The Executive Director of the Law Commission of Ontario, Nye Thomas, will be here to discuss lessons learned from their comprehensive, multi-year law reform project on Legal Capacity, Decision-making and Guardianship. The report, which was just published in March of this year, contains a range of recommendations addressing health care, guardianship, powers of attorney, human rights, capacity assessment, dispute resolution, legal aid, regulation of professional substitute decision makers, and public legal education. BCLI Executive Director Kathleen Cunningham will moderate the discussion to help identify potential areas for law reform in BC.
Supported decision making is an alternative to substitute decision-making that is available to some adults with reduced capacity who have people in their lives whom they trust and can turn to for support. In BC, the Representation Agreement Act provides legal recognition to supported decision-making relationships. In her presentation CCEL staff lawyer Laura Tamblyn Watts will provide an introduction to the concept of supported decision-making, discuss ethical issues related to fiduciary duty, concerns around undue influence and elder abuse, and explore the potential for using supported decision-making in an investment context to allow people with reduced capacity to take greater leadership in determining their financial futures. This presentation forms part of the CCEL current project on Inclusive Investing: Respecting the Rights of Vulnerable Investors through Supported Decision Making.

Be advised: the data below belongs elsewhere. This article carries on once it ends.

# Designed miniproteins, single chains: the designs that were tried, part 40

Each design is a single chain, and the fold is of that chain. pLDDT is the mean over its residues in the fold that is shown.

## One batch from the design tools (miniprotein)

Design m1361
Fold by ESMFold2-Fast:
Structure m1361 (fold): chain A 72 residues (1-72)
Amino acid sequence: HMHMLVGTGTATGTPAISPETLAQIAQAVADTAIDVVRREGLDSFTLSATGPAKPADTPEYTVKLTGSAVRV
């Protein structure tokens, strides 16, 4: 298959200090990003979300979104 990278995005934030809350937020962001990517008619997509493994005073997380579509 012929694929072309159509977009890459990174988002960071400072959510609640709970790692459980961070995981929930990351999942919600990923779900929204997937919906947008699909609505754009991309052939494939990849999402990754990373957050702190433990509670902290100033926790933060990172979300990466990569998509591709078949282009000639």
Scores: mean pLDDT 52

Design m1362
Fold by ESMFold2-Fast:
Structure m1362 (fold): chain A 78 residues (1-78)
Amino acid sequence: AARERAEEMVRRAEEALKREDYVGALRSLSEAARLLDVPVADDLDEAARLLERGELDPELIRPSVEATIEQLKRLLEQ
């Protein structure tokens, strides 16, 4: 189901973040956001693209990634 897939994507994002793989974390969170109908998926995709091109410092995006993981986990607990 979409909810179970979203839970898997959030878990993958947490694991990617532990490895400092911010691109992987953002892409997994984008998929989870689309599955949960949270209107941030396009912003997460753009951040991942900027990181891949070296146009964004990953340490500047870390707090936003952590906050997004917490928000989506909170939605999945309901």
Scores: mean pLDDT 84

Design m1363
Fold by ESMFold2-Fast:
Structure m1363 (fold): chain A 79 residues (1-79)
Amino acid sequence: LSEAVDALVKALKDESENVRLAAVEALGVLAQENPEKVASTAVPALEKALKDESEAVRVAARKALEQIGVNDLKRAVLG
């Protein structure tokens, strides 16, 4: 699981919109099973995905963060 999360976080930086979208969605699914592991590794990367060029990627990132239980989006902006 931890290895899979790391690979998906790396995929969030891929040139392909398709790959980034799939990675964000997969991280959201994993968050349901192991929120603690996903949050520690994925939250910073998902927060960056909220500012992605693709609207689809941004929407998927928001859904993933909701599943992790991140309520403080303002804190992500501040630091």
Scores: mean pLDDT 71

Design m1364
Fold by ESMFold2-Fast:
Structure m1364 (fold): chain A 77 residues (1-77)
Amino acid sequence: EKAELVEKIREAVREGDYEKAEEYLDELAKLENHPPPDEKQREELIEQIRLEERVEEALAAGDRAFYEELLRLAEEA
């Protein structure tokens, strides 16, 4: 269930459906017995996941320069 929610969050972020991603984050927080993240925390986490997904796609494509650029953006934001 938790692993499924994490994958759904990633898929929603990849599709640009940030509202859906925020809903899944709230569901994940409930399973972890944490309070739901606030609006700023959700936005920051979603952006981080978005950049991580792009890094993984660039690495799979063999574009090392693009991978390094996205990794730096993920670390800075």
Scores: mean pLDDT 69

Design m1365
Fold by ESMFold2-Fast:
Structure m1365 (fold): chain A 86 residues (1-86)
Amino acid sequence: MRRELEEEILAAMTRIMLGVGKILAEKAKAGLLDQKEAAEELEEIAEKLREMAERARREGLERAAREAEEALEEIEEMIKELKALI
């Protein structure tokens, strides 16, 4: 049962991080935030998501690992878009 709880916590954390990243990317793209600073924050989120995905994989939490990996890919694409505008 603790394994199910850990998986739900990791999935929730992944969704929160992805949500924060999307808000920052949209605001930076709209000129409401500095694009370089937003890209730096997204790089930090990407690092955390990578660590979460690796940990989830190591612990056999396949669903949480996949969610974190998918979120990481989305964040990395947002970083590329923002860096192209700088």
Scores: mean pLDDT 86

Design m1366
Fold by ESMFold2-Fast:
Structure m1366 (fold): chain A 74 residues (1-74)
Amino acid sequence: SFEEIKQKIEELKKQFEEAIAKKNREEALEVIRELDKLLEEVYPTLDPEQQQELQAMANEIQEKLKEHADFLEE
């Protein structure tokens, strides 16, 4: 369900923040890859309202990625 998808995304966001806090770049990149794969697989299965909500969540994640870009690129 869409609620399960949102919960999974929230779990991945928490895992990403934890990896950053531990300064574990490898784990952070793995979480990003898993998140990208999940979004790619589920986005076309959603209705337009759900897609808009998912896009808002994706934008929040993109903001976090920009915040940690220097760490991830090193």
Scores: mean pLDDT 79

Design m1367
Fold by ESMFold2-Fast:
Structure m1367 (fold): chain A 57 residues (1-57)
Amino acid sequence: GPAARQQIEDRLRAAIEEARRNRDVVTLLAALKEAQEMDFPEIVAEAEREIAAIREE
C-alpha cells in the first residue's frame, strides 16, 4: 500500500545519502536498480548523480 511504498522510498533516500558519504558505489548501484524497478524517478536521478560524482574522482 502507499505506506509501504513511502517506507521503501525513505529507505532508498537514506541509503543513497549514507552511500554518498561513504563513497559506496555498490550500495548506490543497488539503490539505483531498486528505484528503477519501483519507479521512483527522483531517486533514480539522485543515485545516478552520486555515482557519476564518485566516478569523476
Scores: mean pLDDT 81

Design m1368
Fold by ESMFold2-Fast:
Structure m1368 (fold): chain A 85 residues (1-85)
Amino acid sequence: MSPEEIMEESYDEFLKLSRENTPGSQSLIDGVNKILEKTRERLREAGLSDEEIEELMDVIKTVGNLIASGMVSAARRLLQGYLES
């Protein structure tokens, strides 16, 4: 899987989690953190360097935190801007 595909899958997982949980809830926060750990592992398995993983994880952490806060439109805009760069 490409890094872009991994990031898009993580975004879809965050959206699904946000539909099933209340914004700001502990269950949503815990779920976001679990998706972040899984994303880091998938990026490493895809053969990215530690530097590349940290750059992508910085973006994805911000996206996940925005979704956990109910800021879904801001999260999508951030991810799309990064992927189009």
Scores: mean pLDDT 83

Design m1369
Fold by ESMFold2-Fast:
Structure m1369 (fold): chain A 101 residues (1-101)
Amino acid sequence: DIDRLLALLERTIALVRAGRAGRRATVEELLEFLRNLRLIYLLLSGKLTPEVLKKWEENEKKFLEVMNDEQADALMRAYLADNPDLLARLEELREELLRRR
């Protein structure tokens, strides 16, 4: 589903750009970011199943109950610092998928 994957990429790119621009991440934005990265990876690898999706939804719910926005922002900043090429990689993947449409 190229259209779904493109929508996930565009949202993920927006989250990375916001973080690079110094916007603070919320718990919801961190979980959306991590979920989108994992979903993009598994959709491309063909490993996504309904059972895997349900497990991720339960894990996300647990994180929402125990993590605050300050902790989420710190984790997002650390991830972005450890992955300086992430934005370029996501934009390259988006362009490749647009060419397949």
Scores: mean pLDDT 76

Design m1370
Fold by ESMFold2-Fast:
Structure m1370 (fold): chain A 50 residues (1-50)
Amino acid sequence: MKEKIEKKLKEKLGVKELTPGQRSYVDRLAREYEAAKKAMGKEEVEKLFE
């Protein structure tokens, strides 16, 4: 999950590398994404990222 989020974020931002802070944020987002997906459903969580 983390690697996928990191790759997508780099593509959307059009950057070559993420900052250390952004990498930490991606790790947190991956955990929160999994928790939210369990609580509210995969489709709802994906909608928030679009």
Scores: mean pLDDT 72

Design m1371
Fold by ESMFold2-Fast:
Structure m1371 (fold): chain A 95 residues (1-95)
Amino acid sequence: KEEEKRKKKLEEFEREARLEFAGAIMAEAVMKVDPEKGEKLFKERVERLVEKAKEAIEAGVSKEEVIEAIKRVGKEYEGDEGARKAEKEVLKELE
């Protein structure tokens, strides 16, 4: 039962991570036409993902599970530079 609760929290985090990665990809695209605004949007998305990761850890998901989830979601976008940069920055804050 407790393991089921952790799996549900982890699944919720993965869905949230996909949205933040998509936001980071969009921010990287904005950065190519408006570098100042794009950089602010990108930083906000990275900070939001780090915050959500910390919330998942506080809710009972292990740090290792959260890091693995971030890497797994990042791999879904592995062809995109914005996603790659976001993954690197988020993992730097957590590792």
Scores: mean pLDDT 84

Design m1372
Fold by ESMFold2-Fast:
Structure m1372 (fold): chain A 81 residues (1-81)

We are thrilled to have a special conference presenter coming to us all the way from New South Wales to share their experiences with managing their guardianship regime through a tribunal system, as an alternative to using the court system as we do in BC. Malcolm Schyvens, Division Head – Guardianship Division, NSW Civil and Administrative Tribunal, will provide an overview of the Australian guardianship landscape, including the role of tribunals.
Practical Tips to Support Practice in Challenging Circumstances
Mental capacity issues give rise to numerous ethical and practical challenges for lawyers, notaries, and other professionals. A number of panels are designed to offer strategic, practical advice to seasoned and more junior practitioners.